Acid rain and snowfall have wiped out all the fish and many plants in 50 percent of the high mountain lakes in the Adirondack Mountains, according to a new survey by the New York State Bureau of Fisheries.

The lakes, formerly clear, cold bodies of water known for their trout fishing, have reached such high levels of acidity that fish and plants have died and been replaced by acid-tolerant mats of algae.

The report also states that, while 50 percent of the high-altitude lakes have been killed by acid fallout, more than 10 percent of the lakes in the entire U.S. Adirondack region are now "dead." Some 280 of the region's 2,800 lakes have been found to be without fish and more than a thousand of the mountain lakes have not yet been tested.

The survey was described by Dr. Carl Schofield, professor of natural resources at Cornell University, during the meeting here of the American Association for the Advancement of Science, by Patrick Festa of the New York Bureau of Fisheries.

Another researcher, Thomas Hutchinson of the University of Toronto, said that there are many more vulnerable lakes in Canada than in the United States, and that the Canadian government has counted hundreds of "killed" lakes in Ontario and Quebec. He said that if lakes continue to reach acidity levels at the current rate, between 4,000 and 8,000 more lakes will lose their fish life in the next two decades in Canada.

The lakes in both the United States and Canada have been increasing in acidity. Researchers blame the oxides of nitrogen and sulfur which are carried by air currents from the industries and autos of the midwestern and northeastern states. The oxides then fall into the lakes with rain, or collect in snow and pour in heavy amounts into the lakes in the spring.

Many lakes can absorb and neutralize the acidic substances falling into them for many years, especially those that have thick layers of soil on the lake bottoms or a constant supply of flowing fresh water from springs or streams.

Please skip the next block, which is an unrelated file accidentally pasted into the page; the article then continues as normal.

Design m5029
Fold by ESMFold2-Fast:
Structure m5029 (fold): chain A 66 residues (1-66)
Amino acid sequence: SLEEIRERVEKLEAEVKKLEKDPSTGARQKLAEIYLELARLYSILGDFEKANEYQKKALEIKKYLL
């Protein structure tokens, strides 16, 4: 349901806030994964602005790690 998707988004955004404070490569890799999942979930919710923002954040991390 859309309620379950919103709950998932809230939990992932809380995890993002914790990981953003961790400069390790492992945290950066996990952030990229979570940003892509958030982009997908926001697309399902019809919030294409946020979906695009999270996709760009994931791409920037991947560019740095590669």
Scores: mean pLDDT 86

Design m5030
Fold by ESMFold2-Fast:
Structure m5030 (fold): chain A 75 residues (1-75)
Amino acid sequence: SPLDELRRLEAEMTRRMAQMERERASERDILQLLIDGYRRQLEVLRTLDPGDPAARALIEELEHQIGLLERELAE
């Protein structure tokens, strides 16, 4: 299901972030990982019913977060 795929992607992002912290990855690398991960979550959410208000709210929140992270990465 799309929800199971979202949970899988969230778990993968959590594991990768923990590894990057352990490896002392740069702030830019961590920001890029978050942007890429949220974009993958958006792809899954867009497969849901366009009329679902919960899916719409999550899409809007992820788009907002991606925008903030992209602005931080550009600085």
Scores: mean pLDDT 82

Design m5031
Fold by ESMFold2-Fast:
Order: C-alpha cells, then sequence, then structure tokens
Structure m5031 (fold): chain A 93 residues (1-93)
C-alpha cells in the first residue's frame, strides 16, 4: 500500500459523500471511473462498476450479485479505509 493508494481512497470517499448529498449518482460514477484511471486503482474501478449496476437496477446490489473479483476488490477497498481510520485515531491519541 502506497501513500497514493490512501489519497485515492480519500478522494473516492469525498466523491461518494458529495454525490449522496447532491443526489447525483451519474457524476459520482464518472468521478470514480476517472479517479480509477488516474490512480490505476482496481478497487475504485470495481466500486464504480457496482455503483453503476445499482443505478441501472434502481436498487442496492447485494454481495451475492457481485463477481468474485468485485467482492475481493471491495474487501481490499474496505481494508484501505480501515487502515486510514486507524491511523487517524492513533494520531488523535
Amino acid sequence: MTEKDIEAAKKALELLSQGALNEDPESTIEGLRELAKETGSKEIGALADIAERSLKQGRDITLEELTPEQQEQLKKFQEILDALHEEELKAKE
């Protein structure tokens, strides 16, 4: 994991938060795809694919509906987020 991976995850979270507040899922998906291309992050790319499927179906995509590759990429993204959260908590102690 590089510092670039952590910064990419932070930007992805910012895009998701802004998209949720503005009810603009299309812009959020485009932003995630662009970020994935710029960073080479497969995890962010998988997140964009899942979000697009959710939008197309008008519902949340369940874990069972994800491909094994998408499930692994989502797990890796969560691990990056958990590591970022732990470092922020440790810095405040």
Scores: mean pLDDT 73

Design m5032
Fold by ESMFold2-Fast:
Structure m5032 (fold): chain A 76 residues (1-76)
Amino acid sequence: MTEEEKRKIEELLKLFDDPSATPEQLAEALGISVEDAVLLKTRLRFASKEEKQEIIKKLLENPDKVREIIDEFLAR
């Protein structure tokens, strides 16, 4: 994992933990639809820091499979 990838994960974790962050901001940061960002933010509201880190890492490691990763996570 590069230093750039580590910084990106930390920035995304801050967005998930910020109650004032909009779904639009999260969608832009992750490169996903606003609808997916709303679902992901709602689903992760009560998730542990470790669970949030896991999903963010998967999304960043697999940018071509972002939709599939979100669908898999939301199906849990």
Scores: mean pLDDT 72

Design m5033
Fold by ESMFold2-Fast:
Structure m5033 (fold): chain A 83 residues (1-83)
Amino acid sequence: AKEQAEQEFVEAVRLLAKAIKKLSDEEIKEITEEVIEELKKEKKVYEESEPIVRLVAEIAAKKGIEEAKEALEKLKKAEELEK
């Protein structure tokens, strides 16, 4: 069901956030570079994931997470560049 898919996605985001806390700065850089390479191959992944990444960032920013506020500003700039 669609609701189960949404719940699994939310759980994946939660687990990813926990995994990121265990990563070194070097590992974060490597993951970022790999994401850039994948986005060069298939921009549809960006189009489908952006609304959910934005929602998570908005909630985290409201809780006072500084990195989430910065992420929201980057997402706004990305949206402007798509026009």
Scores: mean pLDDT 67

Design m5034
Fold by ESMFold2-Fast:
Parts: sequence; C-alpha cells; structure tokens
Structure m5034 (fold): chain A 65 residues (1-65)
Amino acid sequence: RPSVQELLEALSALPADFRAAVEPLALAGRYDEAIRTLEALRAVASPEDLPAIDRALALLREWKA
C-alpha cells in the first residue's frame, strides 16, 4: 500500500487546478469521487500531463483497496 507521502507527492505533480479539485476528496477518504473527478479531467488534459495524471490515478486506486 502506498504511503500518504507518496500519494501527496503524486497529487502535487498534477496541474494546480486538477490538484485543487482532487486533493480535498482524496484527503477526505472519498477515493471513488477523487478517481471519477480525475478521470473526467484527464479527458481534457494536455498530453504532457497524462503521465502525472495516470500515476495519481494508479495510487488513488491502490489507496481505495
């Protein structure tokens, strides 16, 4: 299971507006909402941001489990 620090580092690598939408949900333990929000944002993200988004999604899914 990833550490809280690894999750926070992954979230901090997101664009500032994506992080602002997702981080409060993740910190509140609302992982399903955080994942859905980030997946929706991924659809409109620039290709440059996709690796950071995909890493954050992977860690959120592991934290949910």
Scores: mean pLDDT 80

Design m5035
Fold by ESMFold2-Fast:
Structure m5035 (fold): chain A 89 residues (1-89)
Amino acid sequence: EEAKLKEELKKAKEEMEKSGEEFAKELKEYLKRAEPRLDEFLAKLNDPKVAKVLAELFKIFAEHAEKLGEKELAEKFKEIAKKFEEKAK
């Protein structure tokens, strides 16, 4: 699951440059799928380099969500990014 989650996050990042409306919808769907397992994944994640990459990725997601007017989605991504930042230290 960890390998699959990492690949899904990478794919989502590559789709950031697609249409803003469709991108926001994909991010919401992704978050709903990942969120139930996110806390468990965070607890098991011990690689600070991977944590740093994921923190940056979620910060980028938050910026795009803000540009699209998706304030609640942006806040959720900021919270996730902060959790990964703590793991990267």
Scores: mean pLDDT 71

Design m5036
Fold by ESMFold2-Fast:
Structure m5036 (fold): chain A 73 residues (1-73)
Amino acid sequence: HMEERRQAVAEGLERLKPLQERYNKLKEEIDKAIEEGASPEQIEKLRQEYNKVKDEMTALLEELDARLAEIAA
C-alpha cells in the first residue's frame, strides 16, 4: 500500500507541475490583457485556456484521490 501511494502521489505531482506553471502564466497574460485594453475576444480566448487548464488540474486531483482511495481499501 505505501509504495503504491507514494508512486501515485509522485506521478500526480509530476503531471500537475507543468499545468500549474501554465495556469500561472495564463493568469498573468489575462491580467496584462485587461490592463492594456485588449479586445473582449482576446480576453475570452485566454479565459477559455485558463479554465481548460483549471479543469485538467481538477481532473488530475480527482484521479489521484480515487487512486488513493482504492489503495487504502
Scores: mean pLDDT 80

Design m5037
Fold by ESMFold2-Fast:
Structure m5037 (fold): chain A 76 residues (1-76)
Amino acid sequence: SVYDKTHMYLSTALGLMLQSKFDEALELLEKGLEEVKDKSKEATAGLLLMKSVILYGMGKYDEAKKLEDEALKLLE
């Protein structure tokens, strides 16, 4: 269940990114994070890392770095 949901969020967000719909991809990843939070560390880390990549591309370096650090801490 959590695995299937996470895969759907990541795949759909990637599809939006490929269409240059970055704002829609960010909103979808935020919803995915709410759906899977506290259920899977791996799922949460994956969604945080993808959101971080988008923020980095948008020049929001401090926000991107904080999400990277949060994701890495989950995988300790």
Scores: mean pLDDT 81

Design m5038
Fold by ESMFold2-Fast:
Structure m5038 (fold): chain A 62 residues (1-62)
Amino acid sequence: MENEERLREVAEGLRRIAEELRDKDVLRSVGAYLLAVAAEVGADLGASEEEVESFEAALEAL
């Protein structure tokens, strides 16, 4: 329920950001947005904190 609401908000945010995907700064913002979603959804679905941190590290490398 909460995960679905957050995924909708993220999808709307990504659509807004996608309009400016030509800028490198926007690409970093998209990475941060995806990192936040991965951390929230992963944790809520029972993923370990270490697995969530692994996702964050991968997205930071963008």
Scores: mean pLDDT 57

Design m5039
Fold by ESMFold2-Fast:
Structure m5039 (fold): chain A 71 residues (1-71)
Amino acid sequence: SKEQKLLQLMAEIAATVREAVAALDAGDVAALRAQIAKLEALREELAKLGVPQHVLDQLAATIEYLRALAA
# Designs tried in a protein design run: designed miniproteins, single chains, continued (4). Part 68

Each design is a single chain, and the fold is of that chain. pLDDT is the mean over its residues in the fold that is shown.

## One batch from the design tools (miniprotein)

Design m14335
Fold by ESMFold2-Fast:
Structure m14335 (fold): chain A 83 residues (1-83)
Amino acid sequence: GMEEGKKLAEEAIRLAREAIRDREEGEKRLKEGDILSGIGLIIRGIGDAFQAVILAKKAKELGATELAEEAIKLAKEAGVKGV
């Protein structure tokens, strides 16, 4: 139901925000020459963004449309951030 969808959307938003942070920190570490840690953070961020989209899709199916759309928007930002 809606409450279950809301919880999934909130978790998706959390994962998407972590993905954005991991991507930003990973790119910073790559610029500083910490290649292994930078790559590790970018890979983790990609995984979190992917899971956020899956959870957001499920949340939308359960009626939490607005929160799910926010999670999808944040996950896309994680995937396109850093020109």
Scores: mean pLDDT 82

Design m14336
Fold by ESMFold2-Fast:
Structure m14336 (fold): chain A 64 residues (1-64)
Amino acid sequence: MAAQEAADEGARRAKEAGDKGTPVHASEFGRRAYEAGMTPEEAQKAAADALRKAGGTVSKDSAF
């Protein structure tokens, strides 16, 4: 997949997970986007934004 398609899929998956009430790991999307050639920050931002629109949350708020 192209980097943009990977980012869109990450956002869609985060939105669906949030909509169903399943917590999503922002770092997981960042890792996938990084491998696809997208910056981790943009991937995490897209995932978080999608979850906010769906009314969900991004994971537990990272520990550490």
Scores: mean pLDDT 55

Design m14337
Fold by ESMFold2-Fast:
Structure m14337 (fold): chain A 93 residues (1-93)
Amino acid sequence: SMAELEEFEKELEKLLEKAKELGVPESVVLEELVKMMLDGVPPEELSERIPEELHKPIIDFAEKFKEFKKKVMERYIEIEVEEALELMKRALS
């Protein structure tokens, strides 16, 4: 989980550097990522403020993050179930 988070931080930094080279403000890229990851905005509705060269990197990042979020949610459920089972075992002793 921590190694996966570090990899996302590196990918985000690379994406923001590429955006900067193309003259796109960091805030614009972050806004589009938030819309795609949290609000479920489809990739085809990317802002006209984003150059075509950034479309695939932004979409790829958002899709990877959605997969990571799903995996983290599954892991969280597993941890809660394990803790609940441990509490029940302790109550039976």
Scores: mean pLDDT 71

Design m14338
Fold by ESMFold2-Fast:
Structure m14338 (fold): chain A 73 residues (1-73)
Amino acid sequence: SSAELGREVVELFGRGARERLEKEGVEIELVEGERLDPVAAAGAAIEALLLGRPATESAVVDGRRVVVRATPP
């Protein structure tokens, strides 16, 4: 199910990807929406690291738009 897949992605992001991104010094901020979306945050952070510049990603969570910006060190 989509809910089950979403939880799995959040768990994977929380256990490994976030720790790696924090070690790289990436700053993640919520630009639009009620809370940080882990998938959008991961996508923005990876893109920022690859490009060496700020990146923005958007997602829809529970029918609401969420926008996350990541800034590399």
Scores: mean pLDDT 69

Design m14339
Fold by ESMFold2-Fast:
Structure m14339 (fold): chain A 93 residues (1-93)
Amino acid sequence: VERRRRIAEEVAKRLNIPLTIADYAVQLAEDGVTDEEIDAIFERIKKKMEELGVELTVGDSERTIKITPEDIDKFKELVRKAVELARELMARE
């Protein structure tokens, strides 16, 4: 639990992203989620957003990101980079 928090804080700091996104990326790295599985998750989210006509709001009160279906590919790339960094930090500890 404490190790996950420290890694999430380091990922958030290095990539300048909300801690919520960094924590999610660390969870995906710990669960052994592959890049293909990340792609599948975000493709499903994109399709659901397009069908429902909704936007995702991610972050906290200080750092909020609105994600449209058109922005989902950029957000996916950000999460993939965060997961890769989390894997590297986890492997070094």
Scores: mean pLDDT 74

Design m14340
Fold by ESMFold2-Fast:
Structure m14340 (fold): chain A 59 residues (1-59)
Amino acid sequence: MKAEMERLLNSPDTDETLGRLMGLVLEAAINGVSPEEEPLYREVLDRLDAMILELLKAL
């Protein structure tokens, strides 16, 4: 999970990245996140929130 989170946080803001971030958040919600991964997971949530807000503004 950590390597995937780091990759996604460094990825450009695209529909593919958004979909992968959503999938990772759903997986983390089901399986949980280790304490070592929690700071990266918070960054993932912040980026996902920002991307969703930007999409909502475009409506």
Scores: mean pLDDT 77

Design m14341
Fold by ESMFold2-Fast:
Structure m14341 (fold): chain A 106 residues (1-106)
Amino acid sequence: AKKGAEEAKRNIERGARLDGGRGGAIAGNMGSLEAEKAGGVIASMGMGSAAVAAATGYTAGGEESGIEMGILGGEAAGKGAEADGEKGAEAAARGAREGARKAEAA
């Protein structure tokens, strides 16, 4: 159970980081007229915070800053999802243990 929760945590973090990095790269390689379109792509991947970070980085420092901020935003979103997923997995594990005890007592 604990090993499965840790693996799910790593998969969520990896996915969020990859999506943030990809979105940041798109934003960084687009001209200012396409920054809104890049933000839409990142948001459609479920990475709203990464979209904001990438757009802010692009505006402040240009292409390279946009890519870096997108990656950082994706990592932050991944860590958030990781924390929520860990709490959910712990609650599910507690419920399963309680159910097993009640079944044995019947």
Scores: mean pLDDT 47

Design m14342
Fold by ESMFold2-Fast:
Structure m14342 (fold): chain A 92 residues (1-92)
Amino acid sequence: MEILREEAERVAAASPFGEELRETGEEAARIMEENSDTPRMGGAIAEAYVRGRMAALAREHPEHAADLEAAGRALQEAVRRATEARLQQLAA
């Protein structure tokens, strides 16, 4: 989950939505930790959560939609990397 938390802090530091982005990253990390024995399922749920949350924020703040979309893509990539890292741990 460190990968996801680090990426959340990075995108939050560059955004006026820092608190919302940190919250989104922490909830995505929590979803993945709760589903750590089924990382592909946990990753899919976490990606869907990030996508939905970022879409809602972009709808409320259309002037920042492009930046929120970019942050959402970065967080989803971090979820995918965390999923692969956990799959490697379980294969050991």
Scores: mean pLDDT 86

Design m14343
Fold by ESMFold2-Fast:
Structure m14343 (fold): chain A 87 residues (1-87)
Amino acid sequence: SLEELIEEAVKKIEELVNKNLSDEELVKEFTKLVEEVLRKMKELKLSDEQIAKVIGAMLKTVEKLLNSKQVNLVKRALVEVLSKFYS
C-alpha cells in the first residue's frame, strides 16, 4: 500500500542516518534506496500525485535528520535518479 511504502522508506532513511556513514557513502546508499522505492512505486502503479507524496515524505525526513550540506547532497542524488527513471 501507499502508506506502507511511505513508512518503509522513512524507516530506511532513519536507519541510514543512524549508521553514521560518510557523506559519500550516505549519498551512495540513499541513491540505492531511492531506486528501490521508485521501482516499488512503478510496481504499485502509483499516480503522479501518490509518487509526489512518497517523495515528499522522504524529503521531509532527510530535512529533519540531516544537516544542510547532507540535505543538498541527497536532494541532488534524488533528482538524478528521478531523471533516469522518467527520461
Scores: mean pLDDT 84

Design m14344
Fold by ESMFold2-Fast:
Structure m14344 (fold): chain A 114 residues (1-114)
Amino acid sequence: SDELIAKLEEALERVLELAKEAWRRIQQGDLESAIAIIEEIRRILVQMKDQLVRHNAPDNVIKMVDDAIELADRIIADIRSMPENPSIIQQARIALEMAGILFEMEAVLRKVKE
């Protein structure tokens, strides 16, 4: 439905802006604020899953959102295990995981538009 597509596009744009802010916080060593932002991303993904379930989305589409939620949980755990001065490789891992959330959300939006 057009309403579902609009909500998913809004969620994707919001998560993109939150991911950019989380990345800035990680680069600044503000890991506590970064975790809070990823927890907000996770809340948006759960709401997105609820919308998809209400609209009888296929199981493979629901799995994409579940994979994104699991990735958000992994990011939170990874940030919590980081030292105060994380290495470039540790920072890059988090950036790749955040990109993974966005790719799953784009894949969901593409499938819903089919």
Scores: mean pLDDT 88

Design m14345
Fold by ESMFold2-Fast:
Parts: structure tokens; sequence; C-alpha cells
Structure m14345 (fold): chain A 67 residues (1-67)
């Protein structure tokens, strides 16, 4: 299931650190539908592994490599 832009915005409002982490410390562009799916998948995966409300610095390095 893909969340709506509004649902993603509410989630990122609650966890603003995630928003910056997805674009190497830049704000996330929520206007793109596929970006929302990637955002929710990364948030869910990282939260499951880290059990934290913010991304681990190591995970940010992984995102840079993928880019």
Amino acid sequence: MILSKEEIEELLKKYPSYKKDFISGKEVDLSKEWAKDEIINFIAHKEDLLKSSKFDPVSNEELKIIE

But many mountain lakes, "some of the most pristine and beautiful recreation lakes," Schofield said, "have only thin layers of soil on top of rock. These lakes can neutralize these compounds only to a limited degree." Two of the biggest and best known lakes that have lost their fish life are Colden and Avalanche lakes, both of which were fisheries for Brook trout in the 1930s.

Acidity is measured on the pH scale of zero to 7, with the numbers closest to zero being the most acidic, and 7 being neutral. Each lower whole number in the scale is 10 times the acidity of the number above it.

The average level of acidity of the rain and snowfall in the Adirondacks is now about 4.2. The average pH level in the lakes might be expected to be between 6 and 7. When the levels in the lakes drop to pH 5 or lower, fish life is likely to die out, Schofield said. For comparison, vinegar has a pH level of about 3.

Scientists have discovered that fish are not being killed directly by the acidity of the water in most cases, but instead are killed by the aluminum and other heavy metals in the lake soil.

Normally harmless, these metals are released into the water when the acidity of the lake increases.

Another result of the "acid rain" phenomenon which Hutchinson of Toronto noted is an ironic one. The nitrogen and sulfur which are killing fish seem to be acting as a tree fertilizer. "In the short run -- on the order of 30 years -- it appears that the acid rain may have a good effect," Hutchinson said, "though in the long run, it is more likely that the acidity will damage the trees."